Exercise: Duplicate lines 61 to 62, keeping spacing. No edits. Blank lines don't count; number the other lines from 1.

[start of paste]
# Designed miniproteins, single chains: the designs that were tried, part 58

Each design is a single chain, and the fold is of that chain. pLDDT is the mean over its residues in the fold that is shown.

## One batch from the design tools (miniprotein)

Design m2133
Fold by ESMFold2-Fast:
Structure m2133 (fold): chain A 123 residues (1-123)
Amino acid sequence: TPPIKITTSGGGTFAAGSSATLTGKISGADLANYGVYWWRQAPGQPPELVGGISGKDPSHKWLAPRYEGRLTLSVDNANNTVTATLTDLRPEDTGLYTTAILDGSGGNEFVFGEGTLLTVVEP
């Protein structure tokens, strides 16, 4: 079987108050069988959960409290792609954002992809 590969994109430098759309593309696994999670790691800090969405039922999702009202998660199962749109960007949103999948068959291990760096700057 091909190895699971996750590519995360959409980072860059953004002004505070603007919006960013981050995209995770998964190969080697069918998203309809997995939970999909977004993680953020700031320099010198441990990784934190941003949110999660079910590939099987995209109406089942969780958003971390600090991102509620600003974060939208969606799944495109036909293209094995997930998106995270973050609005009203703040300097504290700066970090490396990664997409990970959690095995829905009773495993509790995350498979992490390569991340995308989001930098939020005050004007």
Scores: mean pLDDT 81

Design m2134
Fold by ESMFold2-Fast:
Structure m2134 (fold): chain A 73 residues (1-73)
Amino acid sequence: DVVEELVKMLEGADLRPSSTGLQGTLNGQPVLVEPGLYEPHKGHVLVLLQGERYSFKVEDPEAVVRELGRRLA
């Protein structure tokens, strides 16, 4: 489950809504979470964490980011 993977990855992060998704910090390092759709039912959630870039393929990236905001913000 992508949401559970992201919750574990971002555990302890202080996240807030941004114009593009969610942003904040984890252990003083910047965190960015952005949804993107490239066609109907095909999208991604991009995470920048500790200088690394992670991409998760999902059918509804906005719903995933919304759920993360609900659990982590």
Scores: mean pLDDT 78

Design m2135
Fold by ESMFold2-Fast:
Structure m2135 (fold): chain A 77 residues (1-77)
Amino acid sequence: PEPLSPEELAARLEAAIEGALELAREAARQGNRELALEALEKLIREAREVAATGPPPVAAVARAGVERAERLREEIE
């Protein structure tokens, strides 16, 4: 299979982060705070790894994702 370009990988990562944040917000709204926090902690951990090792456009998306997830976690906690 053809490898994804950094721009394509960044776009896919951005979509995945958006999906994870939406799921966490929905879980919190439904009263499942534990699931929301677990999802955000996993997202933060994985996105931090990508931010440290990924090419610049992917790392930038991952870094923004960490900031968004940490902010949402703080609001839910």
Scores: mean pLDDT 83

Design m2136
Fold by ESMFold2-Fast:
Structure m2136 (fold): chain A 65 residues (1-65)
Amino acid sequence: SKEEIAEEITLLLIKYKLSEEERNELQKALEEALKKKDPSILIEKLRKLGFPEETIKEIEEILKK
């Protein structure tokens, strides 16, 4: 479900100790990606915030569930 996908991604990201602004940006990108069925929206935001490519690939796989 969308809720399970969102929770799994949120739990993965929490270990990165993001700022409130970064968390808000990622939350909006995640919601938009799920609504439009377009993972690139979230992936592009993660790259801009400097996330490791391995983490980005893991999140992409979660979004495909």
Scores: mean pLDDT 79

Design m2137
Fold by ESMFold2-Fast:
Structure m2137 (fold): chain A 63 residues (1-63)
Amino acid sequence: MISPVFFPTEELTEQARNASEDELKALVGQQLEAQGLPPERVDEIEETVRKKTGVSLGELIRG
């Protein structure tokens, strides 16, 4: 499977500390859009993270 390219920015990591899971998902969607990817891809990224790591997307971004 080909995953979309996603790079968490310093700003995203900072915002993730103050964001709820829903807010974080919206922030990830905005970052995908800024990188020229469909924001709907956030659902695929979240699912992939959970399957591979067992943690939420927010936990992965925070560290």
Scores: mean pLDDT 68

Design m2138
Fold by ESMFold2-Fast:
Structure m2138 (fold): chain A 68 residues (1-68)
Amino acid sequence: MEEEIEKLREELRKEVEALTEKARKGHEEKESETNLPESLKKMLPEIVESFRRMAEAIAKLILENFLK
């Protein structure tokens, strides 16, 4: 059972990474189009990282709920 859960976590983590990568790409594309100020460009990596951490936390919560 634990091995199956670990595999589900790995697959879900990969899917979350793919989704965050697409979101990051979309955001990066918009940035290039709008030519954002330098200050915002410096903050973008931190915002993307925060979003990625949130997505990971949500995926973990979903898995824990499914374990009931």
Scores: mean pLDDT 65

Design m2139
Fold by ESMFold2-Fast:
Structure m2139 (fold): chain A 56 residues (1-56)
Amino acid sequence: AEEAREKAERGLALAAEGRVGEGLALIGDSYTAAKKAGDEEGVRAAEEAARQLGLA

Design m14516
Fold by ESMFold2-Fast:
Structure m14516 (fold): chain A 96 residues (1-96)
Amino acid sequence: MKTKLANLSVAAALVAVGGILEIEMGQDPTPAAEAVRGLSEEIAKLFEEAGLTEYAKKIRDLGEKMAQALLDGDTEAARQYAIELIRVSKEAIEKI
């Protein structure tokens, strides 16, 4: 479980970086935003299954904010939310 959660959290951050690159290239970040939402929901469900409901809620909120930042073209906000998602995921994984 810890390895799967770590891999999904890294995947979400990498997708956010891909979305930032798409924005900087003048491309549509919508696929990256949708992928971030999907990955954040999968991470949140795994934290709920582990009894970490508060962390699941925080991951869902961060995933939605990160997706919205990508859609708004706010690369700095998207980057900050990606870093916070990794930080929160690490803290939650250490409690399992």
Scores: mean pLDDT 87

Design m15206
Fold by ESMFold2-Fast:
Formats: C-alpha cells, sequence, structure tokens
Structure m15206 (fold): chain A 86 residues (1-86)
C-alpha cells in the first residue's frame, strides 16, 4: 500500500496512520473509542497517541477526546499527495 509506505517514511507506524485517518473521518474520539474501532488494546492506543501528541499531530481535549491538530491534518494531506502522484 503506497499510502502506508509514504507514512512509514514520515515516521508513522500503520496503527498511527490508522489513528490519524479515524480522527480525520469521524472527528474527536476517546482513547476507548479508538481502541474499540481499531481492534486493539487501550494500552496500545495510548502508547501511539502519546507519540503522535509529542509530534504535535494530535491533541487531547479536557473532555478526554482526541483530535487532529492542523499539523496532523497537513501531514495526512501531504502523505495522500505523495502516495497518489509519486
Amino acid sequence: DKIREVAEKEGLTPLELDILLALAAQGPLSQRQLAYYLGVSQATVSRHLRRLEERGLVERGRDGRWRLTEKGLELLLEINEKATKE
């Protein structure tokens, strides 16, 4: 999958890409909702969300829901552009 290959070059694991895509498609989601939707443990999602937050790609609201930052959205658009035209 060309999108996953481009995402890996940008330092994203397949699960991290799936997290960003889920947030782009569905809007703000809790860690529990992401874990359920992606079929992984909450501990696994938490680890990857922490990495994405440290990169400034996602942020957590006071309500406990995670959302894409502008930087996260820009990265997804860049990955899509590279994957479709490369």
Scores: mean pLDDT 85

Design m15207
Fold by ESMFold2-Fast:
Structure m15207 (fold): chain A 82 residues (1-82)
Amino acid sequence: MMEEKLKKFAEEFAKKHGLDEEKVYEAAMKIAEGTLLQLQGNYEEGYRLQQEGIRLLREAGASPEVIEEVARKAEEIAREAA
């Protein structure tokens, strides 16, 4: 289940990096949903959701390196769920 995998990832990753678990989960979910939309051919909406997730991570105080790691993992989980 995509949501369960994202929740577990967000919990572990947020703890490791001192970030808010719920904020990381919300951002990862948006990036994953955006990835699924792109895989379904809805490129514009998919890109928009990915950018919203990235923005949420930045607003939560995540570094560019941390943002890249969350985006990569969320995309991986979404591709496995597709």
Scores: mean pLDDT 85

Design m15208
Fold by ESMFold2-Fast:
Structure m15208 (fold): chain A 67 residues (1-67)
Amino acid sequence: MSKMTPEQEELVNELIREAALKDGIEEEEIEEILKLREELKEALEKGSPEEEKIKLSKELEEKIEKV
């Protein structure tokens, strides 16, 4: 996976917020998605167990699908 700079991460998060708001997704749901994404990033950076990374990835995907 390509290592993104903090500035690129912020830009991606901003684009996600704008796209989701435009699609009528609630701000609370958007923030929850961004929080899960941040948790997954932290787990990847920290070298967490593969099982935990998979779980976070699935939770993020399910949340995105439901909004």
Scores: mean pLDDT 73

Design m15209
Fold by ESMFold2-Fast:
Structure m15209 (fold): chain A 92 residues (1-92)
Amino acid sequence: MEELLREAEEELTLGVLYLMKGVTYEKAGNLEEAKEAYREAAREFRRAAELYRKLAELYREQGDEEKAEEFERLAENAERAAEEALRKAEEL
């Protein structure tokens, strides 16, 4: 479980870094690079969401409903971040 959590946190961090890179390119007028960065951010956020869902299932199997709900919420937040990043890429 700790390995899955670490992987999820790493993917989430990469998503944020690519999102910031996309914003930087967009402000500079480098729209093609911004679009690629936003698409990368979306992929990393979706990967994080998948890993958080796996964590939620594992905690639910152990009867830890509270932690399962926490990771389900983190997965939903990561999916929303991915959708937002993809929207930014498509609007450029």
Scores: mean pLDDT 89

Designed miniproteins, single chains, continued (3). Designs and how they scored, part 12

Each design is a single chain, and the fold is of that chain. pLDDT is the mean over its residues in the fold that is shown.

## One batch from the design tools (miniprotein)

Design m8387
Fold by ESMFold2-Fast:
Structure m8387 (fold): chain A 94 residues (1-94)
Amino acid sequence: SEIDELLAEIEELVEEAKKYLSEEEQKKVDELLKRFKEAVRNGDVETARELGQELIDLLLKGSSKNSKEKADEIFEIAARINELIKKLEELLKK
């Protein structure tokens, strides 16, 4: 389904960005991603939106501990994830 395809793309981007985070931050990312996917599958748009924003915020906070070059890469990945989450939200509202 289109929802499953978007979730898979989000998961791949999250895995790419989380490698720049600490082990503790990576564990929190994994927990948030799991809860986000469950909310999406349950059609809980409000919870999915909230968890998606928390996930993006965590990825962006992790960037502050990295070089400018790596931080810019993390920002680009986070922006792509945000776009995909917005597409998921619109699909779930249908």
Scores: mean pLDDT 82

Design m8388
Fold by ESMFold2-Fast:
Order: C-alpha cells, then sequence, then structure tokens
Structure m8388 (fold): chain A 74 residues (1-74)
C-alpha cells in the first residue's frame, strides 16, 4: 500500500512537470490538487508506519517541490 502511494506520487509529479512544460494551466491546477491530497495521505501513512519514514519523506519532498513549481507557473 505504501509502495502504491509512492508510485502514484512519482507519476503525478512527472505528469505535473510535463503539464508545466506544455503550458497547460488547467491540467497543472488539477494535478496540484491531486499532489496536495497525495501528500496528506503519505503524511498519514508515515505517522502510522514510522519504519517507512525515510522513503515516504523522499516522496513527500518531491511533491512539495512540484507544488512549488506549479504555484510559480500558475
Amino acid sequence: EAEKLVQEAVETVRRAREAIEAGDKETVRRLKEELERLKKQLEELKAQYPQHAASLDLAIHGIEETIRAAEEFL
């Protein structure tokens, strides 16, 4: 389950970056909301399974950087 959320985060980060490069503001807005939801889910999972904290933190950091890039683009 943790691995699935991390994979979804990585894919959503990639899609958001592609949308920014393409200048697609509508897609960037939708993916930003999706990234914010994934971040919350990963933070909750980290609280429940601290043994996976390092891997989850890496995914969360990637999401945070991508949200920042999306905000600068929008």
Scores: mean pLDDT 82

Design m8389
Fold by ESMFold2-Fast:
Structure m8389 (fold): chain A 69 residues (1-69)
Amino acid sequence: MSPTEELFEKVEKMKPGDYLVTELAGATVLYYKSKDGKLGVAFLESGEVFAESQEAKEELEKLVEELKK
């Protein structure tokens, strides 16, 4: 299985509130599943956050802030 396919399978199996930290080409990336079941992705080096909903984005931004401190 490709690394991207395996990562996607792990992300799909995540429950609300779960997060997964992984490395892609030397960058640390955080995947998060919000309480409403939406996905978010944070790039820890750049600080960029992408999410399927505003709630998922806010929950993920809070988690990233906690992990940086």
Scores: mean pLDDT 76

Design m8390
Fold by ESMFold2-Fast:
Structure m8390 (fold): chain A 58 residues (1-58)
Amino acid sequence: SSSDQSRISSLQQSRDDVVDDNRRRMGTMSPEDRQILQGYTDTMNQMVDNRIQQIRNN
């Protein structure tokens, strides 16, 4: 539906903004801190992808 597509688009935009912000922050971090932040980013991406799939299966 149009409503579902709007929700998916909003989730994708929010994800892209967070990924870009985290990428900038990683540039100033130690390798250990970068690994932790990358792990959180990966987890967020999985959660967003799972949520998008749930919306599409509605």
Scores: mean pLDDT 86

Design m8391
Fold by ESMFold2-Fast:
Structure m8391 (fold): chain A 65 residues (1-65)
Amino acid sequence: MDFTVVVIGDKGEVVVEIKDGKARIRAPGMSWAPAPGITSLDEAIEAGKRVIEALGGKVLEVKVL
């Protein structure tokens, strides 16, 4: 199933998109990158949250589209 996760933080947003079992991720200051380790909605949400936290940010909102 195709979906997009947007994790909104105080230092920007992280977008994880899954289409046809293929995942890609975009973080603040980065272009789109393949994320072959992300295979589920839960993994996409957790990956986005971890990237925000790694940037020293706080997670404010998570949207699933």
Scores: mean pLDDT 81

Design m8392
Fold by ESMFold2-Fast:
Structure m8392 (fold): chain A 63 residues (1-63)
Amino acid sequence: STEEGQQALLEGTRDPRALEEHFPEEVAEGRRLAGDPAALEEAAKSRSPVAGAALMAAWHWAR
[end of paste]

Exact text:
Amino acid sequence: MMEEKLKKFAEEFAKKHGLDEEKVYEAAMKIAEGTLLQLQGNYEEGYRLQQEGIRLLREAGASPEVIEEVARKAEEIAREAA
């Protein structure tokens, strides 16, 4: 289940990096949903959701390196769920 995998990832990753678990989960979910939309051919909406997730991570105080790691993992989980 995509949501369960994202929740577990967000919990572990947020703890490791001192970030808010719920904020990381919300951002990862948006990036994953955006990835699924792109895989379904809805490129514009998919890109928009990915950018919203990235923005949420930045607003939560995540570094560019941390943002890249969350985006990569969320995309991986979404591709496995597709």